Councillors raise concerns about non-unionized pay band changes

Several city councillors worry new employees could end up receiving higher pay than experienced employees

Halifax councillors discussed staff salary scales on Wednesday. Photo: Angela Crozier.
Halifax councillors discussed staff salary scales on Wednesday. Photo: Angela Crozier.

Several Halifax councillors raised the issue of pay scale changes on Wednesday, which will likely have new employees earning higher pay than experienced employees.

Catherine Mullally, director of human resources, said that pay bands are evaluated from a recruitment perspective, to find the person with the right skills for the right job.

“In order for us to be able to achieve that, we do have to look at our bands to be competitive within the public sector,” she said.

Mullally explained that it’s not their goal to pay new employees a higher salary, but they’re simply “not competing” otherwise.

Coun. Matt Whitman (Hammonds Plains – St. Margarets) is concerned about the effect this could have on the city’s budget. Mullally said once an experienced employee meets their pay band cap, they are given a lump sum of money as supplement income.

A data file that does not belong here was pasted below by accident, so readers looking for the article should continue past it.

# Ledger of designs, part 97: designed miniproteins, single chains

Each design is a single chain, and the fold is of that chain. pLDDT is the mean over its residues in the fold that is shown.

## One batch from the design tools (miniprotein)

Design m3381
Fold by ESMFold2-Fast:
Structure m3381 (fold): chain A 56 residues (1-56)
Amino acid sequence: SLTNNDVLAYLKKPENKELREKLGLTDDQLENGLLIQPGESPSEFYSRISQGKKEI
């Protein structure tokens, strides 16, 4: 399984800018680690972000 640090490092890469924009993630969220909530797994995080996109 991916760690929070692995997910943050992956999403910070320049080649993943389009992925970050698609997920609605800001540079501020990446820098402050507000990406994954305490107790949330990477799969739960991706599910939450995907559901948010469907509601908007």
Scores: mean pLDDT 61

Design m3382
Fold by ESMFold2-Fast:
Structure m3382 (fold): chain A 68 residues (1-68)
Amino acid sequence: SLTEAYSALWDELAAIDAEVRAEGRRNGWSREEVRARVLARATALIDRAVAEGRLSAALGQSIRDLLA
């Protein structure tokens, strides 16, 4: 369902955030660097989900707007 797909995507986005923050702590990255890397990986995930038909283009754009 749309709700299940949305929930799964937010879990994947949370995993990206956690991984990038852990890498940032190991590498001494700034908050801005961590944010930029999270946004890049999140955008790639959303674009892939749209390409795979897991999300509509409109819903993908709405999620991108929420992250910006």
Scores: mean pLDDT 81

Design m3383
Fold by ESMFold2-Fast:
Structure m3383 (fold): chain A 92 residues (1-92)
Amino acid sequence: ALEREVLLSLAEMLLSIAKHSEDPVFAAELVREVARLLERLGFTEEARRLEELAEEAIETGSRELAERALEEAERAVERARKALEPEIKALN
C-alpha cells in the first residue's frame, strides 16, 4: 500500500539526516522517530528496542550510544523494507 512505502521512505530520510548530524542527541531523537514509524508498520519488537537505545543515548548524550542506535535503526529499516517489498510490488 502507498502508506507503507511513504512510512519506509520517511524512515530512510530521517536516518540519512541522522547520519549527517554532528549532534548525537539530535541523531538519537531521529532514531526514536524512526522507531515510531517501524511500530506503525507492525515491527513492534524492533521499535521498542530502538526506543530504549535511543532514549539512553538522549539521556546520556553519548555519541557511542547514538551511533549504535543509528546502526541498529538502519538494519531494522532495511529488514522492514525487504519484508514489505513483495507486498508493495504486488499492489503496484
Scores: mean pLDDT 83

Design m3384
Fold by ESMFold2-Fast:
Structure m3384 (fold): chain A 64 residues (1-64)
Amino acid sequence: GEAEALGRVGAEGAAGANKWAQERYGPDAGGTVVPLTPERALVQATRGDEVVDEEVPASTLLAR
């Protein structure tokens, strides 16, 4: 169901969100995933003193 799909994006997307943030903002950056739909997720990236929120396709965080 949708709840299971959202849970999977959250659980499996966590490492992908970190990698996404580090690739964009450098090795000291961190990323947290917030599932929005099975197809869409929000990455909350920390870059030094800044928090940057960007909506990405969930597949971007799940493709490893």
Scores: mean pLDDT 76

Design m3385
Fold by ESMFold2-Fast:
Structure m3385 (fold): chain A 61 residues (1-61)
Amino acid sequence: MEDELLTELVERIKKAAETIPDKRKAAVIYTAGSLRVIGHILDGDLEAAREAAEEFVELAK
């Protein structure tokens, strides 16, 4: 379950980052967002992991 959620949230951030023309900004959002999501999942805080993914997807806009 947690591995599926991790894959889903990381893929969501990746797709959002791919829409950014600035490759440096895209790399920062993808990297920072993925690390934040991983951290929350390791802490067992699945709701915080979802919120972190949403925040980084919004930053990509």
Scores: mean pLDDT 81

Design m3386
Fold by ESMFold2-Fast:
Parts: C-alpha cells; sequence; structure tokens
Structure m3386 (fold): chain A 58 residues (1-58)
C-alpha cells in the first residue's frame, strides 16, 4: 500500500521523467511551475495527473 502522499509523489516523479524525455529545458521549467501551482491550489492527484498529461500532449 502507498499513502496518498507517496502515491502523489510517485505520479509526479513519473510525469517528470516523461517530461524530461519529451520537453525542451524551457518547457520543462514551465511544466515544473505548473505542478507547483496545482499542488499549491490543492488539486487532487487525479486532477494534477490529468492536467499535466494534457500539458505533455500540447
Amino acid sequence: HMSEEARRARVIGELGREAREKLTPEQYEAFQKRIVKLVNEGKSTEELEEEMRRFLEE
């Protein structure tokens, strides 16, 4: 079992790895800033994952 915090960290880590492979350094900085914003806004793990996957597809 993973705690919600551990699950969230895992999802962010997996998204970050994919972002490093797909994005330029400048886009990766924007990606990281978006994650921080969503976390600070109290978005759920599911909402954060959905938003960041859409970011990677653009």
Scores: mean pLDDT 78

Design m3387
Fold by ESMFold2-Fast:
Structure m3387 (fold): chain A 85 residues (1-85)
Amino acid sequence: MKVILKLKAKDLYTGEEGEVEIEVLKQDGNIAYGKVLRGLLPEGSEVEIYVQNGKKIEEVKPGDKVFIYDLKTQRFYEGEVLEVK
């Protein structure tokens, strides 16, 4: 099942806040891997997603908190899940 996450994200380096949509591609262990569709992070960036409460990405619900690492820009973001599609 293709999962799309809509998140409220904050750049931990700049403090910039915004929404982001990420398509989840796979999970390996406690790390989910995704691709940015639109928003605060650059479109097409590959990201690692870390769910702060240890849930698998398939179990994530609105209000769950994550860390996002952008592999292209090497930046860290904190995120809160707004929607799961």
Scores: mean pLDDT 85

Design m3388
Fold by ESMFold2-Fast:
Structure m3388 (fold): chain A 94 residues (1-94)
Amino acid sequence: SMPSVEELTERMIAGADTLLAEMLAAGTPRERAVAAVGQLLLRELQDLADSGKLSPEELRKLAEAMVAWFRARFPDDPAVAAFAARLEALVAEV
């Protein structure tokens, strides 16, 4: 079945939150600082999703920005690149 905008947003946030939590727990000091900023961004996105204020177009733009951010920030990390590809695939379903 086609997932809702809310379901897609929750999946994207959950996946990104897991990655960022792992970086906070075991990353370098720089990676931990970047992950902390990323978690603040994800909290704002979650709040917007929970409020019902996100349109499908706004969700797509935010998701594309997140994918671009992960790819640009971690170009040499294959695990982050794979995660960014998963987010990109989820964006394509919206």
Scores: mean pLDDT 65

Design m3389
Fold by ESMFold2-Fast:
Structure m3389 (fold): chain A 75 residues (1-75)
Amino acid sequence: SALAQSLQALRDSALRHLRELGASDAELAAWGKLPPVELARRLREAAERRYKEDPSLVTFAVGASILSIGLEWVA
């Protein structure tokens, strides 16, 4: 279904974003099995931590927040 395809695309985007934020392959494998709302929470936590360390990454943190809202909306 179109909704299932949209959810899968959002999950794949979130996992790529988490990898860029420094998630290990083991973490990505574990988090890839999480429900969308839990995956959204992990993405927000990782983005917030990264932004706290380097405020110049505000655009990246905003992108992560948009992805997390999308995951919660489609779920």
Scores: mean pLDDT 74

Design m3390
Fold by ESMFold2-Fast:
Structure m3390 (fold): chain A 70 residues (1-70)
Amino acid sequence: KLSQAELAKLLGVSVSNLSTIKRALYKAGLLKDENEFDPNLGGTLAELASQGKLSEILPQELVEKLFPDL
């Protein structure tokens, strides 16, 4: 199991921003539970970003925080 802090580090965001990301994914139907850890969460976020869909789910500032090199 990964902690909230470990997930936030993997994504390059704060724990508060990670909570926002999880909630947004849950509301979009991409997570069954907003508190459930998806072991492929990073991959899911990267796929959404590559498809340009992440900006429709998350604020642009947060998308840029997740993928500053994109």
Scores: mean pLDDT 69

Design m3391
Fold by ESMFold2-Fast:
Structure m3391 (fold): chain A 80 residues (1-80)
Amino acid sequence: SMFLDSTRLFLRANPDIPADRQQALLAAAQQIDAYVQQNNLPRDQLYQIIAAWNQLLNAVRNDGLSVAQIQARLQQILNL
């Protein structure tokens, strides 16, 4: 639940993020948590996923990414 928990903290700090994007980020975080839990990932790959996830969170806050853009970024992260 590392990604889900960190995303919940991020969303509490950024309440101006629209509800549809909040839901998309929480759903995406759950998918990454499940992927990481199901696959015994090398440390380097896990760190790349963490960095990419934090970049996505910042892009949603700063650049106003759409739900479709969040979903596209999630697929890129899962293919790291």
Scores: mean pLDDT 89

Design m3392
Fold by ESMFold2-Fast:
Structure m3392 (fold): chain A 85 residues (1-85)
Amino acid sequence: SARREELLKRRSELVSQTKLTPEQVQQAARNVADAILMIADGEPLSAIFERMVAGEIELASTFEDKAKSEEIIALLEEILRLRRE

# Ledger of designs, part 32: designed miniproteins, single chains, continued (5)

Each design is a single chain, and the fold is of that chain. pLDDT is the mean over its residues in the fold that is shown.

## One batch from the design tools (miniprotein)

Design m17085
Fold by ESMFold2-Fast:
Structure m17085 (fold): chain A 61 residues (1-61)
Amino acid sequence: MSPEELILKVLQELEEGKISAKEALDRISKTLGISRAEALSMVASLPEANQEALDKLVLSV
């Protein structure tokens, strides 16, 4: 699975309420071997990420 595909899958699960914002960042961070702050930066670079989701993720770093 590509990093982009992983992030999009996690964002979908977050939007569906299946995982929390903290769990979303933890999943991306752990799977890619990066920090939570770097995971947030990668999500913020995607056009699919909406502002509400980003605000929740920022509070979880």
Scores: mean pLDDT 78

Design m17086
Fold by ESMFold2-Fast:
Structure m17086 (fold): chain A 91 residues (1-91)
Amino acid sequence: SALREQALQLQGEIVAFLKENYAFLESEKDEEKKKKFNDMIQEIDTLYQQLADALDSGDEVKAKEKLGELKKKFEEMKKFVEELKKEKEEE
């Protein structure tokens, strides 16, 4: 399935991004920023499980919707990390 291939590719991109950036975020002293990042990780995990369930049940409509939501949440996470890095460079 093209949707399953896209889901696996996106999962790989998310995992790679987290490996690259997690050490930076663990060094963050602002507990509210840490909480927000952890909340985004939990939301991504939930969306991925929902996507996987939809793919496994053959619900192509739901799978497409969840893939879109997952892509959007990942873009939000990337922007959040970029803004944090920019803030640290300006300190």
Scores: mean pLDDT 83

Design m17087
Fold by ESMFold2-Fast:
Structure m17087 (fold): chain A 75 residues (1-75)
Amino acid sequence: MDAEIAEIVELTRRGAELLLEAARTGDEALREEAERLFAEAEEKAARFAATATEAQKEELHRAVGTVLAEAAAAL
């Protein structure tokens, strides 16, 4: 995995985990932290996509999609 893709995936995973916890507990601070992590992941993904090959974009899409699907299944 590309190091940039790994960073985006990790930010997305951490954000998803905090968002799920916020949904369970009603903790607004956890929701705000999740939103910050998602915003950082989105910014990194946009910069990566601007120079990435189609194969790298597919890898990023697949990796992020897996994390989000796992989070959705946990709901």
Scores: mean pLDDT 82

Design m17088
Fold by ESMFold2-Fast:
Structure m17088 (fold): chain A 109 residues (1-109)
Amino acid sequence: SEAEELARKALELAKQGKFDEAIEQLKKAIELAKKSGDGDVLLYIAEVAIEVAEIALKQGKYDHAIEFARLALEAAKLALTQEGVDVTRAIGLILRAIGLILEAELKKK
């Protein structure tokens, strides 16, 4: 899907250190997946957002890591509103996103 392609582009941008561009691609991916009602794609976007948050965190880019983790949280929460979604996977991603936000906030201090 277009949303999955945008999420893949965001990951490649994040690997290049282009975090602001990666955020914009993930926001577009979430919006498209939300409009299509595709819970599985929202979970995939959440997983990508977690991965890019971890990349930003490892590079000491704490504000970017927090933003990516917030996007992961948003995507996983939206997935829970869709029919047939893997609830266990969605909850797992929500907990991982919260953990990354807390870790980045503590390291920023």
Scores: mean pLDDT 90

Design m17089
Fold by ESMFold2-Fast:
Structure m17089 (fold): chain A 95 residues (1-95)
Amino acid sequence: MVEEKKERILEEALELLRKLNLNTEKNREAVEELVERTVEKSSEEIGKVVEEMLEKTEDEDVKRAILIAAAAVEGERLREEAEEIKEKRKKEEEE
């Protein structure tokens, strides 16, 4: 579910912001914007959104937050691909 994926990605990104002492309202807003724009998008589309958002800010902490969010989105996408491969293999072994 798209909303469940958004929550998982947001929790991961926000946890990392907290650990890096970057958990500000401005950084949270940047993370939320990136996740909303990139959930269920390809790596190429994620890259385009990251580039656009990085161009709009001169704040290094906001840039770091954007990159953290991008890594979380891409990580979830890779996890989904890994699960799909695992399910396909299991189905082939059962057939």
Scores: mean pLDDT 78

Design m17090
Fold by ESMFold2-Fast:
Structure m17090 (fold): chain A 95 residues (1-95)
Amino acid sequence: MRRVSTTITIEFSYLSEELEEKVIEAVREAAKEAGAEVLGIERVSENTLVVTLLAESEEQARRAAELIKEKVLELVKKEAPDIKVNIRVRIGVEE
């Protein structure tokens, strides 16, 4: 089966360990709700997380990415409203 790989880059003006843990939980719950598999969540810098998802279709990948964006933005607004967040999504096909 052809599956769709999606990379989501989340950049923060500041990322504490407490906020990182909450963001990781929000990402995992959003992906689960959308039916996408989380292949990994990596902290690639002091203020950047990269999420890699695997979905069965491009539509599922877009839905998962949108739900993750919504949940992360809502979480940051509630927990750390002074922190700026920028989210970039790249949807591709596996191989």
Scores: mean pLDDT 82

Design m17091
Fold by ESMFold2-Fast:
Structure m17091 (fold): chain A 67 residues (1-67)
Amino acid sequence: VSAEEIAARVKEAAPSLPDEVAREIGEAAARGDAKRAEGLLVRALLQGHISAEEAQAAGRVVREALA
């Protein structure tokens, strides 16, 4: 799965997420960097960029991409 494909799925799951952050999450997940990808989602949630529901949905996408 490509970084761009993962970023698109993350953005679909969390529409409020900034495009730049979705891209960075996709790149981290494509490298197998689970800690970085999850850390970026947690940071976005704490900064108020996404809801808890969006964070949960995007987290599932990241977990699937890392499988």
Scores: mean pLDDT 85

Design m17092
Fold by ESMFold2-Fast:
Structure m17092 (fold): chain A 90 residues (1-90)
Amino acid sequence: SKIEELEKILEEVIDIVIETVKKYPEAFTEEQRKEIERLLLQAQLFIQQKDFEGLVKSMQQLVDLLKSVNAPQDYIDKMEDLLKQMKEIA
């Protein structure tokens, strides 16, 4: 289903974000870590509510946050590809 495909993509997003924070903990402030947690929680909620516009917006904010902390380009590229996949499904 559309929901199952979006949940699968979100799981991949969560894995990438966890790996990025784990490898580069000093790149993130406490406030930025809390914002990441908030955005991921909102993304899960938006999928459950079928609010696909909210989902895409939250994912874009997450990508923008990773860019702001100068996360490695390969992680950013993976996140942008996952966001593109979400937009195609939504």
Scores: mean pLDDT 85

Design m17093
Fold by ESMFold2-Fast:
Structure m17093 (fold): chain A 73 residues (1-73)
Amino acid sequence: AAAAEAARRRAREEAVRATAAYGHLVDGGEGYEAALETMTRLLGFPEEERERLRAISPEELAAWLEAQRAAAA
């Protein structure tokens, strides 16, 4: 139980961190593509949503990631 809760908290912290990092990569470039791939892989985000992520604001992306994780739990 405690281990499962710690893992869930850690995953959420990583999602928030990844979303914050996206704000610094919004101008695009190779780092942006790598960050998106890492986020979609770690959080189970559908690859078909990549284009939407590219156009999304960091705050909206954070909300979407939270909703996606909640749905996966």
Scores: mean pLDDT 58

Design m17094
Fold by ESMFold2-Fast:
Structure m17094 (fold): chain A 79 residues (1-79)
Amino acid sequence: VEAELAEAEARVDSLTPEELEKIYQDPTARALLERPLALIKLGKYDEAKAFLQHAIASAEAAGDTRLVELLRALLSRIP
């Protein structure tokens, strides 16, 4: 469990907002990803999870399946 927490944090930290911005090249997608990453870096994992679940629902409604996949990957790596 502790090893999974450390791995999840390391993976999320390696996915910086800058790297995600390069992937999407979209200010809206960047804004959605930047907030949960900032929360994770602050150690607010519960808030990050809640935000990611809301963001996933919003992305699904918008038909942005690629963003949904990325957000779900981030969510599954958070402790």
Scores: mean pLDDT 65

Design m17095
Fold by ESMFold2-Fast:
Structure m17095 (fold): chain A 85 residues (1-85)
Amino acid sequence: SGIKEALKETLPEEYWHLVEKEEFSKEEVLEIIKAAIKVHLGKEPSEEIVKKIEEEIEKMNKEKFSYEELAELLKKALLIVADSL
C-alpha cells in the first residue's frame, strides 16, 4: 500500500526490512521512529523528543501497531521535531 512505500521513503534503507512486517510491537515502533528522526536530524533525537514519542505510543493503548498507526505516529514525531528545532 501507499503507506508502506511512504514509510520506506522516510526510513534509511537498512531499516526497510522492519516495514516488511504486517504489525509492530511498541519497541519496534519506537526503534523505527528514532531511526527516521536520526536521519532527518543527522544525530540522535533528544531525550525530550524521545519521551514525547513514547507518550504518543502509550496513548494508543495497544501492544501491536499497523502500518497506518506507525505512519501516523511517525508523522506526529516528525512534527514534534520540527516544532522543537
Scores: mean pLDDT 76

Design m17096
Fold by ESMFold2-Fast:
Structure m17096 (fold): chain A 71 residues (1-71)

“I’m not any more comfortable with it, because it’s still more money, it’s still out of budget, it’s still going to cost taxpayers, but it’s not increasing salary,” said Coun. Whitman.

Halifax councillors discuss the implications of higher pay bands. Photo: Nikki Sacuta
Halifax councillors discuss the implications of higher pay bands. Photo: Nikki Sacuta

Coun. Tim Outhit (Bedford-Wentworth) asked whether the city is losing good candidates because they can’t pay them what they’re used to making in other levels of government.

Mullally said recruiting top candidates has been a problem and has been driving the pay band increase.

She said there is a chance that a new employee could be making more than someone who has worked there for 10 years. “We certainly try to manage that, but there is that chance.”

 

Tags: